In reflection on this Sunday and its focus in the Gospel on John the Baptist, Fleming Rutledge writes, “Advent is not really the season of preparation for Christmas. It is the season of preparation for the second coming of Christ. The aura of the last days hangs over Advent. John the Baptist is the central personage of the season because he is the unique figure who stands at the juncture of the ages, the one who, even before his conception, was called into being by the divine purpose to declare the apocalyptic arrival of God on the world scene.”
The importance of John the Baptist to our Christian story cannot be underestimated. He is the last of the Hebrew prophets, come to herald the arrival of the messiah. From the very beginning of his ministry he is clear as to his relationship with Christ. John knows he is not the messiah, he is not Elijah. He is the voice crying in the wilderness. I think often John is also seen as a slightly odd figure, occupying the fringe of our faith narrative as much as he lived and ministered in the wilderness.
Consider the descriptions we have of John that we heard last week. Wearing a camel’s hair shirt, tied with a belt. He ate locusts and honey. He stayed in the wilderness, and often he is depicted with crazy dirty hair, a wild beard, a generally unkempt appearance. He’s the sort of guy that when he walks into a room the rest of us exchange side-glances. Or is he?
A few days ago I read a statement by Bishop Rob Wright, the Bishop of Atlanta, who said, “John the Baptist is not the wild religious zealot some in the church made him out to be. John is the faithful believer most of us are afraid to be.” That got me thinking about John the Baptist, how we really perceive him, and how he fits into this time of Advent.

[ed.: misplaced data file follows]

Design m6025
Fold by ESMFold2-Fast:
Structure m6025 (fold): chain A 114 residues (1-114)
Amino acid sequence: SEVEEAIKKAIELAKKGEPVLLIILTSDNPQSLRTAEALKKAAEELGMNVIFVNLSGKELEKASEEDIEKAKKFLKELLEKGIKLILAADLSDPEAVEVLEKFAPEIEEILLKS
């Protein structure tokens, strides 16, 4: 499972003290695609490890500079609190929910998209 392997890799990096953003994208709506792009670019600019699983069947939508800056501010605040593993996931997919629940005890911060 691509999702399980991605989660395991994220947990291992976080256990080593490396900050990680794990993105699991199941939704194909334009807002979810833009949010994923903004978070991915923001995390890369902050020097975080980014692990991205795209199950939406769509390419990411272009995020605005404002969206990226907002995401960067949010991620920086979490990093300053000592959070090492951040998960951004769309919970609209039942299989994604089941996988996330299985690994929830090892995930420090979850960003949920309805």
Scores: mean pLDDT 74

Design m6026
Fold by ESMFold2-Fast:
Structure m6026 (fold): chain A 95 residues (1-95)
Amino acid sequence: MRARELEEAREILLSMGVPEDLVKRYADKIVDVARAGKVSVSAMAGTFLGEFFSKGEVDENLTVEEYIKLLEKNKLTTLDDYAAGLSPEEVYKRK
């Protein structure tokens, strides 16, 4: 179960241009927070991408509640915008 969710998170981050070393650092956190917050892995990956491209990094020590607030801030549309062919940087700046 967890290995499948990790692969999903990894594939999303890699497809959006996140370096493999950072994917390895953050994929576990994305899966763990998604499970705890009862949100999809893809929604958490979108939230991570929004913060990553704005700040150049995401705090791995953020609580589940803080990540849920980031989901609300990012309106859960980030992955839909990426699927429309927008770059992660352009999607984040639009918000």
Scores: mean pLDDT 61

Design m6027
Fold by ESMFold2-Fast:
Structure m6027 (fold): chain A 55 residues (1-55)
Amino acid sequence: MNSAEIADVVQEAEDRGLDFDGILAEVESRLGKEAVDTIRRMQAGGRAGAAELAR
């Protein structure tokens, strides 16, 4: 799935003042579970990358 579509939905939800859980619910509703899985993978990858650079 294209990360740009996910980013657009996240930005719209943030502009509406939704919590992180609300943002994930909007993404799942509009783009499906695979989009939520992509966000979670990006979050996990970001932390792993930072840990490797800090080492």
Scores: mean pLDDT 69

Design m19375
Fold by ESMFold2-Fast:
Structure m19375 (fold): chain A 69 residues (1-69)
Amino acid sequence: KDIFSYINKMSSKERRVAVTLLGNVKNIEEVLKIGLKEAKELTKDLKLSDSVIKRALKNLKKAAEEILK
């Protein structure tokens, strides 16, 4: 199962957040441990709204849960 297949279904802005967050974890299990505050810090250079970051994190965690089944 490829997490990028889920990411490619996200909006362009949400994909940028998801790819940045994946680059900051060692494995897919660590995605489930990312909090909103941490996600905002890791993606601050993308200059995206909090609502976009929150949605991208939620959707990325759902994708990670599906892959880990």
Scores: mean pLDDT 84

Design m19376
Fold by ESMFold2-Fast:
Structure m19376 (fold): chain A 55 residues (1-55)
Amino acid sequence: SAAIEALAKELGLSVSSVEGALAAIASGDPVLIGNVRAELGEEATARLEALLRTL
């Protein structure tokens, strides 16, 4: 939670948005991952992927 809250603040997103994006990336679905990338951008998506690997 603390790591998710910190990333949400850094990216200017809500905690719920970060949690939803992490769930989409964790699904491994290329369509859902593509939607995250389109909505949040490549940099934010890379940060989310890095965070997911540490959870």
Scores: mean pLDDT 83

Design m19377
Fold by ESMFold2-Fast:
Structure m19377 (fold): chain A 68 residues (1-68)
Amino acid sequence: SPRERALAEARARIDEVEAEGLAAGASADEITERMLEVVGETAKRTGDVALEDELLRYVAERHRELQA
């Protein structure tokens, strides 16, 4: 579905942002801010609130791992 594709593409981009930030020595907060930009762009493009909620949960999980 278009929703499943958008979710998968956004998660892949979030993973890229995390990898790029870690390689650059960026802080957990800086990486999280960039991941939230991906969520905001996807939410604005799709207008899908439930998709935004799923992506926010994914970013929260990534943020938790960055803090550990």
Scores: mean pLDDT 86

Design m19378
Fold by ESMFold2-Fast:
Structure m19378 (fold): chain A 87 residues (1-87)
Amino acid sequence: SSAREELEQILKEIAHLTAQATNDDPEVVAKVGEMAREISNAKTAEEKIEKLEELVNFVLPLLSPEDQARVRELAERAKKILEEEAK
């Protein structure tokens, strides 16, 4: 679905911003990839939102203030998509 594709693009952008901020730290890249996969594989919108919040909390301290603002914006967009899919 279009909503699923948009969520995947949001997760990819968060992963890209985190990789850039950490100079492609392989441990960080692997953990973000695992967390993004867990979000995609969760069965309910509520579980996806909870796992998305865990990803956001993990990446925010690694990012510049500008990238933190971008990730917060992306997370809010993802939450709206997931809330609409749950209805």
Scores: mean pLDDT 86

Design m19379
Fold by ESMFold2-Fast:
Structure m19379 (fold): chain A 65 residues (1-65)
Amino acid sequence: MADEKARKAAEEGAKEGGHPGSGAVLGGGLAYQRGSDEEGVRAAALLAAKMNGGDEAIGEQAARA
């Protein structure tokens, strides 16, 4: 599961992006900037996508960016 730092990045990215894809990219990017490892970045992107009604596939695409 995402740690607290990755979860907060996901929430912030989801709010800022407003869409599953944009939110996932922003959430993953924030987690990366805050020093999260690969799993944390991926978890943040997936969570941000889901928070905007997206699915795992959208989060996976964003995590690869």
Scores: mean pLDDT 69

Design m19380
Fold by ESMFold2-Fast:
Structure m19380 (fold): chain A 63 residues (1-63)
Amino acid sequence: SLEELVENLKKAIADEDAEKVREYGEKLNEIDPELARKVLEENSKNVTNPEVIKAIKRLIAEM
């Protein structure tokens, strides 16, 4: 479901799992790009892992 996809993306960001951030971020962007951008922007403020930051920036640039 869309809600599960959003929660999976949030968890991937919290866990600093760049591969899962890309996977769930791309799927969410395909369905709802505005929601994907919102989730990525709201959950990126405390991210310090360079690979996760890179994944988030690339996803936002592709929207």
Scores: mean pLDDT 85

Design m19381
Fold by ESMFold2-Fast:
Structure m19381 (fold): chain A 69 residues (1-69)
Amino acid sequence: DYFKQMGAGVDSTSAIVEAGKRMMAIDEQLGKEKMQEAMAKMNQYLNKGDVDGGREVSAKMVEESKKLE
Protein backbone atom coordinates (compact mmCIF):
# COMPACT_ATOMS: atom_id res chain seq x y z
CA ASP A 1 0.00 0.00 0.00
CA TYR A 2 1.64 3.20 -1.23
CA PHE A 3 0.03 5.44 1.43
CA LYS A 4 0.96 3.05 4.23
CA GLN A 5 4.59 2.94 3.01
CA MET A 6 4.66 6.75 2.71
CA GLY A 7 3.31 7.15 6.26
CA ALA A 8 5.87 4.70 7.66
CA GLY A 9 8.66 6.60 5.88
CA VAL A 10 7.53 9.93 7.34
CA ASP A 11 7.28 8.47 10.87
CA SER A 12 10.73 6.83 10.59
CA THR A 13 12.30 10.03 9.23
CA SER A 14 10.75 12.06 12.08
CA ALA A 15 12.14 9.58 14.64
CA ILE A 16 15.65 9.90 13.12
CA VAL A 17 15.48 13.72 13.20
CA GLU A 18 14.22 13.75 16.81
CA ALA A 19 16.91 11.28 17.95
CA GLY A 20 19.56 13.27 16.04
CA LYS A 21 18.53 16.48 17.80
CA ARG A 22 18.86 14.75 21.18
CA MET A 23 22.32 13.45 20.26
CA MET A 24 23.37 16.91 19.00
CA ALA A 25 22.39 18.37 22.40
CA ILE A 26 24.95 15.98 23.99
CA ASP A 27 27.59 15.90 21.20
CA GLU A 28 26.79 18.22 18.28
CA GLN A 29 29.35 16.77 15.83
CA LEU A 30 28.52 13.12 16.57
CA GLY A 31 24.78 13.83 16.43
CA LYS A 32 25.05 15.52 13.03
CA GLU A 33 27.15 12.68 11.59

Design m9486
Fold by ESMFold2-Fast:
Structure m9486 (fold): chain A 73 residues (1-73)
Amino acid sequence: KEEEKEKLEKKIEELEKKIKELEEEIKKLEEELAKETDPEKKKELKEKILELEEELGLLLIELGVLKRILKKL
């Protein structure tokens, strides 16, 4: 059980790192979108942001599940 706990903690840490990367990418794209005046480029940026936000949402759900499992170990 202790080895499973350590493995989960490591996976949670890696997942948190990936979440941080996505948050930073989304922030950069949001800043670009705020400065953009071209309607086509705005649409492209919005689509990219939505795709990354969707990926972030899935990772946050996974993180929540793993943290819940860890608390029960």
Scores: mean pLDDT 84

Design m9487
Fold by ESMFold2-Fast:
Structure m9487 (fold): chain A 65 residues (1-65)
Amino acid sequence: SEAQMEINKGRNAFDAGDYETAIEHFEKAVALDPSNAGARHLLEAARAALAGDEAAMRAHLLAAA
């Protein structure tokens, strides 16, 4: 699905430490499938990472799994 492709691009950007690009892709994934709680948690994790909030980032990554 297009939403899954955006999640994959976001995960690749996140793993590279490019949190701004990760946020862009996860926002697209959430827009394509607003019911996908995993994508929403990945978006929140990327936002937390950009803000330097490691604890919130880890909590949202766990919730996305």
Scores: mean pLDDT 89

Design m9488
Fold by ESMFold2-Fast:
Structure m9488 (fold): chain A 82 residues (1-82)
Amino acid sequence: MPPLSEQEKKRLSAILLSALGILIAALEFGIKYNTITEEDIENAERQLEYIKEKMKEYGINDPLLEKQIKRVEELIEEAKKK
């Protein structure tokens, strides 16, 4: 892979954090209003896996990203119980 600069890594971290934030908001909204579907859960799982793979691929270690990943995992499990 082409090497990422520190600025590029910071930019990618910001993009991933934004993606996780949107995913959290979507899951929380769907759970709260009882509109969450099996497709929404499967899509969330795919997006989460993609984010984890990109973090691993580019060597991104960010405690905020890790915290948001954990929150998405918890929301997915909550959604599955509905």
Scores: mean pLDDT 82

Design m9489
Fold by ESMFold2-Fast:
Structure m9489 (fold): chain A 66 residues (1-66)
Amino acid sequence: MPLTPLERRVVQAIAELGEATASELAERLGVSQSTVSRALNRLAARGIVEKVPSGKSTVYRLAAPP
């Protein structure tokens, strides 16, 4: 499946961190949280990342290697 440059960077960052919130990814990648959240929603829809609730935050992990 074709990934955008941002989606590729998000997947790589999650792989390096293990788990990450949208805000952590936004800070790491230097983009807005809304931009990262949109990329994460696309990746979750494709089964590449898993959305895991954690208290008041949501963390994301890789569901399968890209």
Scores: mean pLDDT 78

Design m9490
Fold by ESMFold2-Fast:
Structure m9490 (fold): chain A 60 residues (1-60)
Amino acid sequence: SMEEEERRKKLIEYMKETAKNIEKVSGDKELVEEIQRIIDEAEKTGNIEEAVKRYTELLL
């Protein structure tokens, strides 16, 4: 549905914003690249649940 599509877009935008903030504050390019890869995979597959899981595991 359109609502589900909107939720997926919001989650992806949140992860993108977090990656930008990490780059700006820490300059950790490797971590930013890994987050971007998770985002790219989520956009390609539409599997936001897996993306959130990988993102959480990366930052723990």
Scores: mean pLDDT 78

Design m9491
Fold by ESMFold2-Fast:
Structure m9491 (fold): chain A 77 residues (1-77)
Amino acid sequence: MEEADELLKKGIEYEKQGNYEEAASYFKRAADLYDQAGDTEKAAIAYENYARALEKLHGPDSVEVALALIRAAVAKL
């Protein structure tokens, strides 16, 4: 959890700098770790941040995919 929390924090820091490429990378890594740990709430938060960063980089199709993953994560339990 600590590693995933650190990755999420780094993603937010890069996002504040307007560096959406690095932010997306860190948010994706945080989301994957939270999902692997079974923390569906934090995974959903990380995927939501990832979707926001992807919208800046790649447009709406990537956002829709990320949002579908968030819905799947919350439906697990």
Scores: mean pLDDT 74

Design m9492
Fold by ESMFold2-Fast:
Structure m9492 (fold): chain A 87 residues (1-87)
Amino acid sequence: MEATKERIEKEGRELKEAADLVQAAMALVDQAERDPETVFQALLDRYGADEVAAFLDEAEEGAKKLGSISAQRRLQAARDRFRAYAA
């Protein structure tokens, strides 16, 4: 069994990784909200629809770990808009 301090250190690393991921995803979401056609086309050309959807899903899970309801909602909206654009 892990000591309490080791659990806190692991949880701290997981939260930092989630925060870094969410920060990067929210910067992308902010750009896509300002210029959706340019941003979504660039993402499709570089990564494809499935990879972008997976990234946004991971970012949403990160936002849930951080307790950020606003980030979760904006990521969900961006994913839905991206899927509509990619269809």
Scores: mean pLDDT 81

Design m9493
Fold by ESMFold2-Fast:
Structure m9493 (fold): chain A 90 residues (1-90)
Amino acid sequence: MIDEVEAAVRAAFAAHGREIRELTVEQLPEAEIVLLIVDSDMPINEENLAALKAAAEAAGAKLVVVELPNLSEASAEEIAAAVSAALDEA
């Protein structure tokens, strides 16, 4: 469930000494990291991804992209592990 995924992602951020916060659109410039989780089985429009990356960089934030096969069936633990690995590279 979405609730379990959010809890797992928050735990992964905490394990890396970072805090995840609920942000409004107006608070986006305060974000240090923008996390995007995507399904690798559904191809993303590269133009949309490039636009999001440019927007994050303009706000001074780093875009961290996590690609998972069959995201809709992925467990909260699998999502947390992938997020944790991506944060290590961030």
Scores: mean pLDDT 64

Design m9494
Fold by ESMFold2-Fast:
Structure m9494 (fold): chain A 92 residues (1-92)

We are preparing for Christ’s return, quite really the end of the world and the coming of the Kingdom of God. A joyful, beautiful, and terrifying moment. John is willing to be derided, to be seen as an outcast and questioned by those who would wield social authority. Willing to do what is necessary to herald the messiah and everything that means change in the world. So the question is… are we afraid to do the same? Are we willing to risk being the outcast? Are we willing to risk derision? Are we willing to risk our mortal safety to proclaim the Gospel of Jesus Christ? For Episcopalians I probably should add are we willing to risk embarrassment for talking about our faith? Certainly seen as a fate worse than death itself for us.
David Bartlett writes, “We cannot read the story about John the Baptist without remembering the world regularly offers resistance to our witness. Though the Fourth Gospel never directly alludes to John’s fate, we know from our reading of the Synoptics that he was beheaded for his faithfulness. In polite North American society, resistance is often far more subtle. The danger is not that we will be executed but that we will be ignored. The Word made flesh turns into the word made papier-mâché, displayed on the lawn with all the charm and all the power of Santas, elves, and red-nosed reindeer.”
Advent is a beautiful and terrible time. It calls us to prepare for the end and to proclaim the Good News. It really does call us to work, and I don’t mean by decorating trees and baking cookies. We cannot afford to lose the meaning and importance of this season in the constant din of canned Christmas music. There’s nothing inherently wrong with those things, but they are too often our distraction from the actual faith we proclaim and cling to. No doubt Christmas can be a time of joy, much like this Sunday is. But that joy is about our salvation, about the Good News that accompanies the birth of the messiah. Advent beckons us to remember that Christmas is about the fulfillment of the Law, the promise of God to his people. So perhaps…maybe when I hear those radio announcers telling me there are only 12 days left until Christmas… what they’re really trying to do is warn me that the end is near. ‘Gaudete in Domino semper’.